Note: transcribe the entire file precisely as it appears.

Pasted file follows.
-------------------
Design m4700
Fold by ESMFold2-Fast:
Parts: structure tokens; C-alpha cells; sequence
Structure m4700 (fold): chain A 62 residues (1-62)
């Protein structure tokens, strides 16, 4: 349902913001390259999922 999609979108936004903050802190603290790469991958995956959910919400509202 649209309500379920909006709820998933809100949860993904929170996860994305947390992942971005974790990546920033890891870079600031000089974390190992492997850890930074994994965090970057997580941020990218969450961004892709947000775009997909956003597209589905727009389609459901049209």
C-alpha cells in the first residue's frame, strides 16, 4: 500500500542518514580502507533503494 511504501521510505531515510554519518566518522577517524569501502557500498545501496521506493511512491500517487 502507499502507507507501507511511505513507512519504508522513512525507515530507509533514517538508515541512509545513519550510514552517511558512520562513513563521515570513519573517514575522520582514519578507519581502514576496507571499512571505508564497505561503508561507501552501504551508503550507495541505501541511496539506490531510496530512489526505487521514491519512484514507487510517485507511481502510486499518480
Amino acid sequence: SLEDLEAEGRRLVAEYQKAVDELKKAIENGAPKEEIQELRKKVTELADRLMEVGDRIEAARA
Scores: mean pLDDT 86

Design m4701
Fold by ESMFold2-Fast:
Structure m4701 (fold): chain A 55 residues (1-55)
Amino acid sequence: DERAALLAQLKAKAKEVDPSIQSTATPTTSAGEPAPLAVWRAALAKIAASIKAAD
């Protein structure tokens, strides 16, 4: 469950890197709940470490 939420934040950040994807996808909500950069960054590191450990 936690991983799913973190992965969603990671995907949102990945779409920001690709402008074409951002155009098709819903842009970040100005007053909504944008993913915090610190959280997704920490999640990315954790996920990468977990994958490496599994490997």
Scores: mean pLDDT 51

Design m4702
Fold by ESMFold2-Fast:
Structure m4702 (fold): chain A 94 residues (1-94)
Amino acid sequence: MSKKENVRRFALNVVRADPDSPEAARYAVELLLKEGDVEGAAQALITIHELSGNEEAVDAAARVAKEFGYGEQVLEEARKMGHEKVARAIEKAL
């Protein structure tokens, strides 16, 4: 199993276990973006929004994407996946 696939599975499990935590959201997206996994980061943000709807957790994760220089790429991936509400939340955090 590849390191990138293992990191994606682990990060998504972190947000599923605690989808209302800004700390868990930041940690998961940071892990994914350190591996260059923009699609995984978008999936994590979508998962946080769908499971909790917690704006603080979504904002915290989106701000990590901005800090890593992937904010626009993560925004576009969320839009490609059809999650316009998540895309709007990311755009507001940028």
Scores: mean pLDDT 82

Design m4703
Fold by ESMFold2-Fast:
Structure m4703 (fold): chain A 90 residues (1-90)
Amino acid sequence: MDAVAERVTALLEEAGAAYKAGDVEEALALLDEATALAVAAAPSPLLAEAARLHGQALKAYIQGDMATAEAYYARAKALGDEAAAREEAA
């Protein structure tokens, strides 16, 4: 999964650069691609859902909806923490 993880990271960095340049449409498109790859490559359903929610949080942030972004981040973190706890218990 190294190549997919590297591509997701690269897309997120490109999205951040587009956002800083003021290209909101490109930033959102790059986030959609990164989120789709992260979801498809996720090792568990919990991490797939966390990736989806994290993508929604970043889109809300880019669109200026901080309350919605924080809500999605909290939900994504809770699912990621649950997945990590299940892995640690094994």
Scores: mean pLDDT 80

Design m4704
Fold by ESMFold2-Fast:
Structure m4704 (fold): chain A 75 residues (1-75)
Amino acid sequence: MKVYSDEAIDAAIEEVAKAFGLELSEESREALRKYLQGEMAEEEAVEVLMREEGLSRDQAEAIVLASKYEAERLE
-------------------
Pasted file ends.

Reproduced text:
Design m4700
Fold by ESMFold2-Fast:
Parts: structure tokens; C-alpha cells; sequence
Structure m4700 (fold): chain A 62 residues (1-62)
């Protein structure tokens, strides 16, 4: 349902913001390259999922 999609979108936004903050802190603290790469991958995956959910919400509202 649209309500379920909006709820998933809100949860993904929170996860994305947390992942971005974790990546920033890891870079600031000089974390190992492997850890930074994994965090970057997580941020990218969450961004892709947000775009997909956003597209589905727009389609459901049209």
C-alpha cells in the first residue's frame, strides 16, 4: 500500500542518514580502507533503494 511504501521510505531515510554519518566518522577517524569501502557500498545501496521506493511512491500517487 502507499502507507507501507511511505513507512519504508522513512525507515530507509533514517538508515541512509545513519550510514552517511558512520562513513563521515570513519573517514575522520582514519578507519581502514576496507571499512571505508564497505561503508561507501552501504551508503550507495541505501541511496539506490531510496530512489526505487521514491519512484514507487510517485507511481502510486499518480
Amino acid sequence: SLEDLEAEGRRLVAEYQKAVDELKKAIENGAPKEEIQELRKKVTELADRLMEVGDRIEAARA
Scores: mean pLDDT 86

Design m4701
Fold by ESMFold2-Fast:
Structure m4701 (fold): chain A 55 residues (1-55)
Amino acid sequence: DERAALLAQLKAKAKEVDPSIQSTATPTTSAGEPAPLAVWRAALAKIAASIKAAD
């Protein structure tokens, strides 16, 4: 469950890197709940470490 939420934040950040994807996808909500950069960054590191450990 936690991983799913973190992965969603990671995907949102990945779409920001690709402008074409951002155009098709819903842009970040100005007053909504944008993913915090610190959280997704920490999640990315954790996920990468977990994958490496599994490997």
Scores: mean pLDDT 51

Design m4702
Fold by ESMFold2-Fast:
Structure m4702 (fold): chain A 94 residues (1-94)
Amino acid sequence: MSKKENVRRFALNVVRADPDSPEAARYAVELLLKEGDVEGAAQALITIHELSGNEEAVDAAARVAKEFGYGEQVLEEARKMGHEKVARAIEKAL
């Protein structure tokens, strides 16, 4: 199993276990973006929004994407996946 696939599975499990935590959201997206996994980061943000709807957790994760220089790429991936509400939340955090 590849390191990138293992990191994606682990990060998504972190947000599923605690989808209302800004700390868990930041940690998961940071892990994914350190591996260059923009699609995984978008999936994590979508998962946080769908499971909790917690704006603080979504904002915290989106701000990590901005800090890593992937904010626009993560925004576009969320839009490609059809999650316009998540895309709007990311755009507001940028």
Scores: mean pLDDT 82

Design m4703
Fold by ESMFold2-Fast:
Structure m4703 (fold): chain A 90 residues (1-90)
Amino acid sequence: MDAVAERVTALLEEAGAAYKAGDVEEALALLDEATALAVAAAPSPLLAEAARLHGQALKAYIQGDMATAEAYYARAKALGDEAAAREEAA
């Protein structure tokens, strides 16, 4: 999964650069691609859902909806923490 993880990271960095340049449409498109790859490559359903929610949080942030972004981040973190706890218990 190294190549997919590297591509997701690269897309997120490109999205951040587009956002800083003021290209909101490109930033959102790059986030959609990164989120789709992260979801498809996720090792568990919990991490797939966390990736989806994290993508929604970043889109809300880019669109200026901080309350919605924080809500999605909290939900994504809770699912990621649950997945990590299940892995640690094994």
Scores: mean pLDDT 80

Design m4704
Fold by ESMFold2-Fast:
Structure m4704 (fold): chain A 75 residues (1-75)
Amino acid sequence: MKVYSDEAIDAAIEEVAKAFGLELSEESREALRKYLQGEMAEEEAVEVLMREEGLSRDQAEAIVLASKYEAERLE